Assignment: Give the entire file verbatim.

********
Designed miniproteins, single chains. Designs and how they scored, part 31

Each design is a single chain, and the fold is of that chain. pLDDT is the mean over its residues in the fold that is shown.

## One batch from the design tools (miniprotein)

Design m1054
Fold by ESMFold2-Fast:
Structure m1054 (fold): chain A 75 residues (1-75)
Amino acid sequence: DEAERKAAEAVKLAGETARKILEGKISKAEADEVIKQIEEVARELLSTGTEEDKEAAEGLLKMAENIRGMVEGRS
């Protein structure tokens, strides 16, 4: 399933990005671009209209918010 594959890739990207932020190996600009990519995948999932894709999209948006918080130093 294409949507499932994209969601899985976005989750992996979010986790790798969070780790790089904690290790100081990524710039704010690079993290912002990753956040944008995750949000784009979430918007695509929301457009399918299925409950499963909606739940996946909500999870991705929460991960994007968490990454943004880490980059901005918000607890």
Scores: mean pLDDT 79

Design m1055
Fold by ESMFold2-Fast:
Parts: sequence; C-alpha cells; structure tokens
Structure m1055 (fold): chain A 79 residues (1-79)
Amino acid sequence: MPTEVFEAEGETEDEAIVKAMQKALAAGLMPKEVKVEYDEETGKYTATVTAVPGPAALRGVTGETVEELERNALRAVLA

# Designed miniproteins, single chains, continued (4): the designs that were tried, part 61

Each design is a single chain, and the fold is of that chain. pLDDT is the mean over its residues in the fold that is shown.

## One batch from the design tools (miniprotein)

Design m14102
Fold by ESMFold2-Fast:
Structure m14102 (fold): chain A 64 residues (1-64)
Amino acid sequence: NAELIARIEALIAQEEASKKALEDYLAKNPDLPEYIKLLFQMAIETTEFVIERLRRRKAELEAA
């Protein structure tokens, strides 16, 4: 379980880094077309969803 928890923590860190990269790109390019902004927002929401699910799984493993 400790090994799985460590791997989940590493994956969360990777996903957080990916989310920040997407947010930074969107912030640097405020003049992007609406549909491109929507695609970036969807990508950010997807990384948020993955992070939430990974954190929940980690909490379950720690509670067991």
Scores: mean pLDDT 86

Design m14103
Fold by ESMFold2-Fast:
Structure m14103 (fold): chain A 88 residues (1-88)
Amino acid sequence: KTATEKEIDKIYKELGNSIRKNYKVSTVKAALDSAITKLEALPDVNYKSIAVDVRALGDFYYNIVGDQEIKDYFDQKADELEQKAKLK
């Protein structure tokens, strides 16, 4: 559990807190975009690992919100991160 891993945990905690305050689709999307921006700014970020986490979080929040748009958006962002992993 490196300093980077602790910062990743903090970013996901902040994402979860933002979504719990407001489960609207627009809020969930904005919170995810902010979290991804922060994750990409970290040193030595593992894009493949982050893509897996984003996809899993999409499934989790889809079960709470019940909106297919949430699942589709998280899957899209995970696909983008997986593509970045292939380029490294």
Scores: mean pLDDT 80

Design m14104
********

Designed miniproteins, single chains. Designs and how they scored, part 31

Each design is a single chain, and the fold is of that chain. pLDDT is the mean over its residues in the fold that is shown.

## One batch from the design tools (miniprotein)

Design m1054
Fold by ESMFold2-Fast:
Structure m1054 (fold): chain A 75 residues (1-75)
Amino acid sequence: DEAERKAAEAVKLAGETARKILEGKISKAEADEVIKQIEEVARELLSTGTEEDKEAAEGLLKMAENIRGMVEGRS
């Protein structure tokens, strides 16, 4: 399933990005671009209209918010 594959890739990207932020190996600009990519995948999932894709999209948006918080130093 294409949507499932994209969601899985976005989750992996979010986790790798969070780790790089904690290790100081990524710039704010690079993290912002990753956040944008995750949000784009979430918007695509929301457009399918299925409950499963909606739940996946909500999870991705929460991960994007968490990454943004880490980059901005918000607890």
Scores: mean pLDDT 79

Design m1055
Fold by ESMFold2-Fast:
Parts: sequence; C-alpha cells; structure tokens
Structure m1055 (fold): chain A 79 residues (1-79)
Amino acid sequence: MPTEVFEAEGETEDEAIVKAMQKALAAGLMPKEVKVEYDEETGKYTATVTAVPGPAALRGVTGETVEELERNALRAVLA

# Designed miniproteins, single chains, continued (4): the designs that were tried, part 61

Each design is a single chain, and the fold is of that chain. pLDDT is the mean over its residues in the fold that is shown.

## One batch from the design tools (miniprotein)

Design m14102
Fold by ESMFold2-Fast:
Structure m14102 (fold): chain A 64 residues (1-64)
Amino acid sequence: NAELIARIEALIAQEEASKKALEDYLAKNPDLPEYIKLLFQMAIETTEFVIERLRRRKAELEAA
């Protein structure tokens, strides 16, 4: 379980880094077309969803 928890923590860190990269790109390019902004927002929401699910799984493993 400790090994799985460590791997989940590493994956969360990777996903957080990916989310920040997407947010930074969107912030640097405020003049992007609406549909491109929507695609970036969807990508950010997807990384948020993955992070939430990974954190929940980690909490379950720690509670067991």
Scores: mean pLDDT 86

Design m14103
Fold by ESMFold2-Fast:
Structure m14103 (fold): chain A 88 residues (1-88)
Amino acid sequence: KTATEKEIDKIYKELGNSIRKNYKVSTVKAALDSAITKLEALPDVNYKSIAVDVRALGDFYYNIVGDQEIKDYFDQKADELEQKAKLK
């Protein structure tokens, strides 16, 4: 559990807190975009690992919100991160 891993945990905690305050689709999307921006700014970020986490979080929040748009958006962002992993 490196300093980077602790910062990743903090970013996901902040994402979860933002979504719990407001489960609207627009809020969930904005919170995810902010979290991804922060994750990409970290040193030595593992894009493949982050893509897996984003996809899993999409499934989790889809079960709470019940909106297919949430699942589709998280899957899209995970696909983008997986593509970045292939380029490294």
Scores: mean pLDDT 80

Design m14104